My White Education

Being a recent college graduate you start to realize certain things about the world and how it works. You realize that the only thing guaranteed after you graduate is student loan debt and a piece of paper with your degree on it. But despite my seemingly pessimistic view of the matter I do overall miss college and since being in college I have developed a skill that is critical for every individual today and that is the skill of critical thinking. Now I know you all are wondering about the title of this post and how does it relate to all my years of schooling? Well, I want you all to examine how the average American young person learns in America and how certain racist ideology exists today.

In college, I had a couple of friends who took a mythology class, nothing wrong with that right? However,  one would think that because of the name that it would be a survey class of international mythology, but no, it was exclusively Greek and Roman. Now, I have no problem with learning about the Greeks and Romans they were bad-assess don’t get me wrong they have done a lot for society. What bothered me was that a class called “mythology” only included Greco-Roman mythology, if it was titled “Greek” or “Classical” nothing would be off-putting by that. but the fact that this class was called simply “mythology” was a bit shade thrown at people of color’s contribution to the world. My question that I would pose to my readers would be are People of color being forced to see the world through white eyes? and is whiteness promoted through the education system? If so, how does this affect race relations today?

As I brooded over this these questions I started asking myself questions such as, ” Can I name one black philosopher?” ” Can I name an African King?” How much do I know about ancient African civilization? and I started to realize that I couldn’t name many, I couldn’t name one philosopher, I could only think of one African civilization, the Egyptians, and many researchers vehemently deny that they were “African” even though they were in the Sahara desert in the full sun or nearly thousands of years and lived on the continent of AFRICA! smh. but in the end I really didn’t know much and what I did know had to come from personal research OUTSIDE of the classroom.The reason why African history is excluded from the class is because the American education system has not changed since like, SLAVERY?! Whiteness is the standard of all white education outlets. This has a tremendous effect on people of color even to the extreme of hating and praising whiteness has a rule of acceptance and a sign of being somebody and greatness. And because of this it leads to two outcomes, white people are being taught to be racist because this sort of education system praises them and teaches that they are the only ones capable and smart enough to do anything,  and the second outcome, is People of color ultimately turn on themselves in order to achieve “whiteness”.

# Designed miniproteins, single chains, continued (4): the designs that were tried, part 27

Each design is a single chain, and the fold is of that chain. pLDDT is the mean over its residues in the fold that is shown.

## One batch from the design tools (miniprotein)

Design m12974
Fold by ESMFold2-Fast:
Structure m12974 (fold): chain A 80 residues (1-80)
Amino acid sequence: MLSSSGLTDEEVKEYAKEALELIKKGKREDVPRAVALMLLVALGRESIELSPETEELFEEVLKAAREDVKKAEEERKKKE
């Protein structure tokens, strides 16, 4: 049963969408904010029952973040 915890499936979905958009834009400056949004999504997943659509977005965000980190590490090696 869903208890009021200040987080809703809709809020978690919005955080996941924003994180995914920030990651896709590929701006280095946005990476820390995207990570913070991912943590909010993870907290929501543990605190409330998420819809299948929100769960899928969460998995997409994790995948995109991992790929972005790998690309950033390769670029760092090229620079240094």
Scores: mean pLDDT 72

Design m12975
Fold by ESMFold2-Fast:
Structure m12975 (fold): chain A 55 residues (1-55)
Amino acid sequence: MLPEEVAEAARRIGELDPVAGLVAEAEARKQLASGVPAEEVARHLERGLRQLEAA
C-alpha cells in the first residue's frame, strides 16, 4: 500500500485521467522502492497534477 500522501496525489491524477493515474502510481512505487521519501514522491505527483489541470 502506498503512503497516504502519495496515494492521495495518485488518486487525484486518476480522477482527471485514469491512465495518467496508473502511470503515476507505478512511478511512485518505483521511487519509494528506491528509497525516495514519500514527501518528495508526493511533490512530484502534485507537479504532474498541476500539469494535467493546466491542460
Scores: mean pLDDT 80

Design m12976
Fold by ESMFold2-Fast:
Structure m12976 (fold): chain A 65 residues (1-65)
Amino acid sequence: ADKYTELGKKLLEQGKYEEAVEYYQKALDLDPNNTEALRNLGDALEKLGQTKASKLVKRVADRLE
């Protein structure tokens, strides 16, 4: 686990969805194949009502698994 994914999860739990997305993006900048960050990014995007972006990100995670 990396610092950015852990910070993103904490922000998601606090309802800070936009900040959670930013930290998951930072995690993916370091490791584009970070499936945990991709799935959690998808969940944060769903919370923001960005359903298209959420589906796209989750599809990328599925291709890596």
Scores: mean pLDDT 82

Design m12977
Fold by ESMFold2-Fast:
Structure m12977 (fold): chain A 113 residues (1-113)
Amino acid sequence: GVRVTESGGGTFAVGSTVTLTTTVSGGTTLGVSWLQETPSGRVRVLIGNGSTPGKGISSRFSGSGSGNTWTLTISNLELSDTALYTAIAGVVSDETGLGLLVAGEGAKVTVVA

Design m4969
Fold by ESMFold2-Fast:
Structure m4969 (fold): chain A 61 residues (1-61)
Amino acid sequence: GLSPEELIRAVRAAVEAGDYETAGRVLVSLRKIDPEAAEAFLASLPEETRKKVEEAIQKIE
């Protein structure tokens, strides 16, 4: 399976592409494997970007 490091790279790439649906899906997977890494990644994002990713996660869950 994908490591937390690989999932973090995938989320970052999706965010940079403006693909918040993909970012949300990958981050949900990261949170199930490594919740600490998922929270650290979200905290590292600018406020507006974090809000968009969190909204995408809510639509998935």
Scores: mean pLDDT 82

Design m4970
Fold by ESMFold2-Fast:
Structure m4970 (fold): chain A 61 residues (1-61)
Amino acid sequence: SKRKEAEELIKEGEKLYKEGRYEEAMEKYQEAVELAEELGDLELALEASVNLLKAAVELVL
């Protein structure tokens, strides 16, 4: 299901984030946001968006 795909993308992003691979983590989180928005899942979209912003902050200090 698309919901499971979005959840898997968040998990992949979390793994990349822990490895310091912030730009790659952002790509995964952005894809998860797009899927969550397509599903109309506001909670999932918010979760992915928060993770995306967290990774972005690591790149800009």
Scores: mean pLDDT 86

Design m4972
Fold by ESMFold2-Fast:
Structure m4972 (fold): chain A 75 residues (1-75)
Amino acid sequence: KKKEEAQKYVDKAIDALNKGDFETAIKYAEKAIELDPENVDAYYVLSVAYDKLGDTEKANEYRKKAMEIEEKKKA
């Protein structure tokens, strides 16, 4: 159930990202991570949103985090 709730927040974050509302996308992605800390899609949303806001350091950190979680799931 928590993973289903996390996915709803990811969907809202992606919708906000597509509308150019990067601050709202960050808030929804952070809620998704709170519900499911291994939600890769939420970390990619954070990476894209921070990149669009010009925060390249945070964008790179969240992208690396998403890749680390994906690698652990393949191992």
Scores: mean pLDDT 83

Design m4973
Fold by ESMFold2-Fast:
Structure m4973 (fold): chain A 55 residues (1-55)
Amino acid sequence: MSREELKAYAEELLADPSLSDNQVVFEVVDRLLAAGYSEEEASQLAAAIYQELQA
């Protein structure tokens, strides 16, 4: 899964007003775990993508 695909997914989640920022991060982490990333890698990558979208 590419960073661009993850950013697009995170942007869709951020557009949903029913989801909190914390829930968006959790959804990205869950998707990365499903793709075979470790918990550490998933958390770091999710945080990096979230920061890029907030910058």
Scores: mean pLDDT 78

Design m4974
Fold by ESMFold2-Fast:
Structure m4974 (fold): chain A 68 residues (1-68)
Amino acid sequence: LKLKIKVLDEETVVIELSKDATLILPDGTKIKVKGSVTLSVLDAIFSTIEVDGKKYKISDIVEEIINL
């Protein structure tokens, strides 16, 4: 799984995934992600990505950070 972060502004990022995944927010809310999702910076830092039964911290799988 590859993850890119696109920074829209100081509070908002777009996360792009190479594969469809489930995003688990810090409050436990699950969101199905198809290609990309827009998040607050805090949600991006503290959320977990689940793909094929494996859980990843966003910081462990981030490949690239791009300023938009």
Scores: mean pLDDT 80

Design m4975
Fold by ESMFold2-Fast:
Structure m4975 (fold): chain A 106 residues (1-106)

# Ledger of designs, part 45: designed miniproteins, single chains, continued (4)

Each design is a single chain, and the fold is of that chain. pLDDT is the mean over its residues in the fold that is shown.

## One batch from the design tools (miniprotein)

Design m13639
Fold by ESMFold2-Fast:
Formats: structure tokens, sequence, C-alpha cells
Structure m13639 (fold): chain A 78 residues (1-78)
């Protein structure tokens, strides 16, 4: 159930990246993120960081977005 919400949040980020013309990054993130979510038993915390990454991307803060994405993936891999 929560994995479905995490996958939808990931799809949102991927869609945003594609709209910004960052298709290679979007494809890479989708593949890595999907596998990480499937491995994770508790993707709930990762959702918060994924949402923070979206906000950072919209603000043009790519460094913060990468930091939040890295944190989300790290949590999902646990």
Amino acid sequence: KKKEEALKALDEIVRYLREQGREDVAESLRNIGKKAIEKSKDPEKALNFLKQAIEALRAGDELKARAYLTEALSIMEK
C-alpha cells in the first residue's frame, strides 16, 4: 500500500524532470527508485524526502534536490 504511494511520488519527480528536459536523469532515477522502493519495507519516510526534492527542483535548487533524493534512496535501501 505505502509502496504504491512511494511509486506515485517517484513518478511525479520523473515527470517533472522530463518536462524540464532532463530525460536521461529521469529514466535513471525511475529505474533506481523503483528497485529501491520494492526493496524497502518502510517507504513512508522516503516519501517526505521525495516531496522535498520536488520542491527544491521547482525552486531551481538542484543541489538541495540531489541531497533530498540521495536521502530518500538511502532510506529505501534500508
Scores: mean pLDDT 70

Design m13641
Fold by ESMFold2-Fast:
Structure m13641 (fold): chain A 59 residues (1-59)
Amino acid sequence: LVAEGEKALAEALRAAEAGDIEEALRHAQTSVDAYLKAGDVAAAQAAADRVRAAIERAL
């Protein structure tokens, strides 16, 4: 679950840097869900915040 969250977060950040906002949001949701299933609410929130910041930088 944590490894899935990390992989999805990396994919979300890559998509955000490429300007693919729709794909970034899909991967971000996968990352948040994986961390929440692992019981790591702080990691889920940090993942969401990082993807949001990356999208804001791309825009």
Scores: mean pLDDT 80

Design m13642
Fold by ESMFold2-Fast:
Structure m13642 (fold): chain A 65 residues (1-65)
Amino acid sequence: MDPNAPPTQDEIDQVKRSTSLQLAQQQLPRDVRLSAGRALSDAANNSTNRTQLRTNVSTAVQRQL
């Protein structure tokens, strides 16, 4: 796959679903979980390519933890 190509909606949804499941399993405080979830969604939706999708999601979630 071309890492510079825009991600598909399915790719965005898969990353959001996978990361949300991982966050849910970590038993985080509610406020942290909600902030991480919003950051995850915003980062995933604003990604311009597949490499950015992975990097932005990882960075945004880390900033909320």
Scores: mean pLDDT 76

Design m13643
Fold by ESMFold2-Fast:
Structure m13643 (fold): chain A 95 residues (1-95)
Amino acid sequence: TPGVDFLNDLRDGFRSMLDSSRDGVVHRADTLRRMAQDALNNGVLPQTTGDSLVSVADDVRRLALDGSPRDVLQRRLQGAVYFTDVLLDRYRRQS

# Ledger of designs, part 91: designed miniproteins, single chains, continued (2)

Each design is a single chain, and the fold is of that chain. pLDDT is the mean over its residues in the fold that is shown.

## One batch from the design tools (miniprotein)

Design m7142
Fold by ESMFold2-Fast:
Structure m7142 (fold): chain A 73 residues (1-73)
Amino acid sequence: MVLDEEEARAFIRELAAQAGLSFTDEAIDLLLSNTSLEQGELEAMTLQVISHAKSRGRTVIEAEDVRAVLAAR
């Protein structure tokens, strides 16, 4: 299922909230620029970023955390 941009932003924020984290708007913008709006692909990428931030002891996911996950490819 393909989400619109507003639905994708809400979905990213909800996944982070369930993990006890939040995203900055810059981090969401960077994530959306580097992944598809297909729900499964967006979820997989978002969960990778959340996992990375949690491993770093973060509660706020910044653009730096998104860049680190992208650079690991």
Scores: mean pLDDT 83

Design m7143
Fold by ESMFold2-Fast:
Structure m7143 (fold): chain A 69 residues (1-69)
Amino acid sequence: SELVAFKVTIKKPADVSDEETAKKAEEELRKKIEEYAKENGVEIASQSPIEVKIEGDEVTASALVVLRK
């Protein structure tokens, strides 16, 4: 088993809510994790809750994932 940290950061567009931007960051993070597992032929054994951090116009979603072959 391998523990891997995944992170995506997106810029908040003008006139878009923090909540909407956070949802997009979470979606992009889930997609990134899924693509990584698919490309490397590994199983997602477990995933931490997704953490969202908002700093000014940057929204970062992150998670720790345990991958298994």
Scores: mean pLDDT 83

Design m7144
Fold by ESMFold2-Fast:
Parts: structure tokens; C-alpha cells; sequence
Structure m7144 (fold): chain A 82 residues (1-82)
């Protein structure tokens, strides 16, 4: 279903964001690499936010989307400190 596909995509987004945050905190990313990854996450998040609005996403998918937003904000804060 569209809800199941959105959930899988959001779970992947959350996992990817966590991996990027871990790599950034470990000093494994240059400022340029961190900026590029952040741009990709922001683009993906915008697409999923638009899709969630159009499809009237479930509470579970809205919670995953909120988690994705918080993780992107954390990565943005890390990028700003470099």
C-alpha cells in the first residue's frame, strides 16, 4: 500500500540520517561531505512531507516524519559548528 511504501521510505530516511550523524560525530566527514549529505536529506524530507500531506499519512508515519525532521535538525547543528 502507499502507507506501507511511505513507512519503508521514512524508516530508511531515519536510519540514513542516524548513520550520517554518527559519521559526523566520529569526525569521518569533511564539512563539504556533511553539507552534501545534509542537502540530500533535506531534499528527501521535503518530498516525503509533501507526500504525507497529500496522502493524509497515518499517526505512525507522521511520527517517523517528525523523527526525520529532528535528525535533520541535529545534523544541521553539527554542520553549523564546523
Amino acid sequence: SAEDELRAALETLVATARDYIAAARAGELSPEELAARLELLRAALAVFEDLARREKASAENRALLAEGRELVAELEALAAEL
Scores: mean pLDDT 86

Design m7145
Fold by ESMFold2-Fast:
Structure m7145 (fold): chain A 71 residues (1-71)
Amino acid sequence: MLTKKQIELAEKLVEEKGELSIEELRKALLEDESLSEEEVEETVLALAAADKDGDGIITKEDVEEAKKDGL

So, I said all of that to say that people of color especially young black people deserve for their culture and history to be recognized and valued. Not only because it’s their right but because when the whole world knows and respects black achievement it can no longer base it off of people of color being inadequate and “needing” white people to be great because the world will see they would be great on their own. Please leave any questions or comments below

Please let me know your thoughts on this and share this post!

Melanoid Millennial

2 thoughts on “My White Education

  1. i’ve written something similar – about how my local library failed to stock even the most prolific black authors such as James Baldwin, Toni Morrison, Zora Neale Hurston, Audre Lorde… And I too find myself struggling to recall names from diasporan history, let alone continental history! This comes after SIXTEEN years in the US educational system, both public and private. I think the issue is much larger than that because at home, at church, and in any other social setting, I still was not exposed to Black/African history. I could sit down and memorize a textbook with the facts and narratives of the great figures wose shoulders I stand on, but a much better technique would be one of immersion. That can take place at school, but also at home. I’m kinda looking at my family like, “Soo, we just ain’t gon’ care or what?” To be fair, they’re trying, they’re learning. Decolonization – of our minds, of our attitudes, and our cultural practices – is gonna take some very intentional work, ya’ll. But it should be so so fun to finally pop some melanin in our lives!

    To aid this process in my own small way, I’ve started a blog called “Marooners’ Lagoon – for rebels, runaways, and anyone who needs a resting place.” It’s a comfy place where I try to represent identities that are often misrepresented in media (particularly young queer black). Check it out if you please!


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